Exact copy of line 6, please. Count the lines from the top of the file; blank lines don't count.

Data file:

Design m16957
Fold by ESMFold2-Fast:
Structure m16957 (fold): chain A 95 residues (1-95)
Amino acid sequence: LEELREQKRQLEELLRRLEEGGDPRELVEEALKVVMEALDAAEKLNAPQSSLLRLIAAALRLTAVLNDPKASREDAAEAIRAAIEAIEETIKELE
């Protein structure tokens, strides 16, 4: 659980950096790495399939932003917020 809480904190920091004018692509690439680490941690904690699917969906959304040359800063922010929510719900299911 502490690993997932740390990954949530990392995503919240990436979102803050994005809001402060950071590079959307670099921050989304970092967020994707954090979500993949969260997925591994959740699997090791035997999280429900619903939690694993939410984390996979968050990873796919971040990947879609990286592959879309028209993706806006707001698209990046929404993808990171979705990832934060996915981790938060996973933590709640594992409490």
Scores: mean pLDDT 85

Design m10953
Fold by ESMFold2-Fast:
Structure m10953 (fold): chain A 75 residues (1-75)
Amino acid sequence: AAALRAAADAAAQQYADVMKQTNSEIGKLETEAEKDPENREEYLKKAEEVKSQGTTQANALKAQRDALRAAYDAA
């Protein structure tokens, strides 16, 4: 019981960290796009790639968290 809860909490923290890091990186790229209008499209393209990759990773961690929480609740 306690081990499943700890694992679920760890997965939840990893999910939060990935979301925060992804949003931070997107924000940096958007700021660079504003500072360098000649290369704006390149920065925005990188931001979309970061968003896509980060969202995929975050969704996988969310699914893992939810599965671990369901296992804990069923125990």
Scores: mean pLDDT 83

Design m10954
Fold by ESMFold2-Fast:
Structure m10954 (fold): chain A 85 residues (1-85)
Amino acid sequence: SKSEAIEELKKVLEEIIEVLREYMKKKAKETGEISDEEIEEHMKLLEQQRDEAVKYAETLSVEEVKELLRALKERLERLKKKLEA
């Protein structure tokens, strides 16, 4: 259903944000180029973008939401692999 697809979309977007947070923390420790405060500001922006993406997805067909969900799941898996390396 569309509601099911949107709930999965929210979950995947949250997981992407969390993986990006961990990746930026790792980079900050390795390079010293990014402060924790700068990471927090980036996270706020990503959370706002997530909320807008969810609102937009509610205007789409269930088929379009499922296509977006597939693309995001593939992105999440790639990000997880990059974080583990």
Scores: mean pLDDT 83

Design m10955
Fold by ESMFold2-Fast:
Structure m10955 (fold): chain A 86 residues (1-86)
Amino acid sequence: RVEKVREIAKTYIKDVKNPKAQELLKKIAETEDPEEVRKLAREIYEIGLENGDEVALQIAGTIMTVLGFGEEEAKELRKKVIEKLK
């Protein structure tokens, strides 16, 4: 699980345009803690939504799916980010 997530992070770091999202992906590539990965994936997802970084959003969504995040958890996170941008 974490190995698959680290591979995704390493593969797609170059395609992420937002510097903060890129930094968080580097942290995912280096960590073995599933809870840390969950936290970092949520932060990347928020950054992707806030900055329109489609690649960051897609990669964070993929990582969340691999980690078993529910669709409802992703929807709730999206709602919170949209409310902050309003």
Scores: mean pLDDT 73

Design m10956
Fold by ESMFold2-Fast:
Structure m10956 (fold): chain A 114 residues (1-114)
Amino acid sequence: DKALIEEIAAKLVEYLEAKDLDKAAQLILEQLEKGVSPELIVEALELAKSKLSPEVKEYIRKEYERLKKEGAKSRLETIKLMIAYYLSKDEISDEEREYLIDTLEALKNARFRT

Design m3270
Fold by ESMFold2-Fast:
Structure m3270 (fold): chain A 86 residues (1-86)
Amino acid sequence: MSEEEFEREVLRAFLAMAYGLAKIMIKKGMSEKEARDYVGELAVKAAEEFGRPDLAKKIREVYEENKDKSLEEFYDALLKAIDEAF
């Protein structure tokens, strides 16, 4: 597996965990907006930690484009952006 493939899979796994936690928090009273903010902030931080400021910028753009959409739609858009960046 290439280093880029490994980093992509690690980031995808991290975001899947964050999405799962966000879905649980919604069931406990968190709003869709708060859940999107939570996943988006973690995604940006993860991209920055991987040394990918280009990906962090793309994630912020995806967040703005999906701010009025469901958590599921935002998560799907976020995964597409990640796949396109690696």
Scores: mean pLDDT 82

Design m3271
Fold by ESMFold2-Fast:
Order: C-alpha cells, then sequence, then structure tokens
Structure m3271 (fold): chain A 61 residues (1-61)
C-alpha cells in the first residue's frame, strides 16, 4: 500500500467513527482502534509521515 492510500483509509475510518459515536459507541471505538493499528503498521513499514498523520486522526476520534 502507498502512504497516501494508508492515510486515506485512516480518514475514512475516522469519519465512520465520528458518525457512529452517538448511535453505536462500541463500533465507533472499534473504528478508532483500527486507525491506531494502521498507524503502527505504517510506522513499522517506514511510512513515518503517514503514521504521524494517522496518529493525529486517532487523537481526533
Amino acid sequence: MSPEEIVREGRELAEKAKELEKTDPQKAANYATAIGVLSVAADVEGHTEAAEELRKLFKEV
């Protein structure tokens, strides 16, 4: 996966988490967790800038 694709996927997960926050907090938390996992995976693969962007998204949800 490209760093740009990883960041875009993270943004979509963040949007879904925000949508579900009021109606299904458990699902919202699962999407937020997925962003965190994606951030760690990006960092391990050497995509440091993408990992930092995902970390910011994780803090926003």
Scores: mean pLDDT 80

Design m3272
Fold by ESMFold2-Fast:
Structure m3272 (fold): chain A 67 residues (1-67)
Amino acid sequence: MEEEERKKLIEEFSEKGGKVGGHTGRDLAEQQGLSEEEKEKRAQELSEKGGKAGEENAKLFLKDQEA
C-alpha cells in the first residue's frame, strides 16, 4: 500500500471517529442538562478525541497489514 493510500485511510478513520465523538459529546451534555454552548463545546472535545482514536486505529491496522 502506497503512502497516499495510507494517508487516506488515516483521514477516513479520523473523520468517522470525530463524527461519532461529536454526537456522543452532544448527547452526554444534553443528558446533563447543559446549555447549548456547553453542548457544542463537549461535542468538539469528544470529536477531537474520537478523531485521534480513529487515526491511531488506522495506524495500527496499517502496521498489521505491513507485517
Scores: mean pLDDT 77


Scores: mean pLDDT 85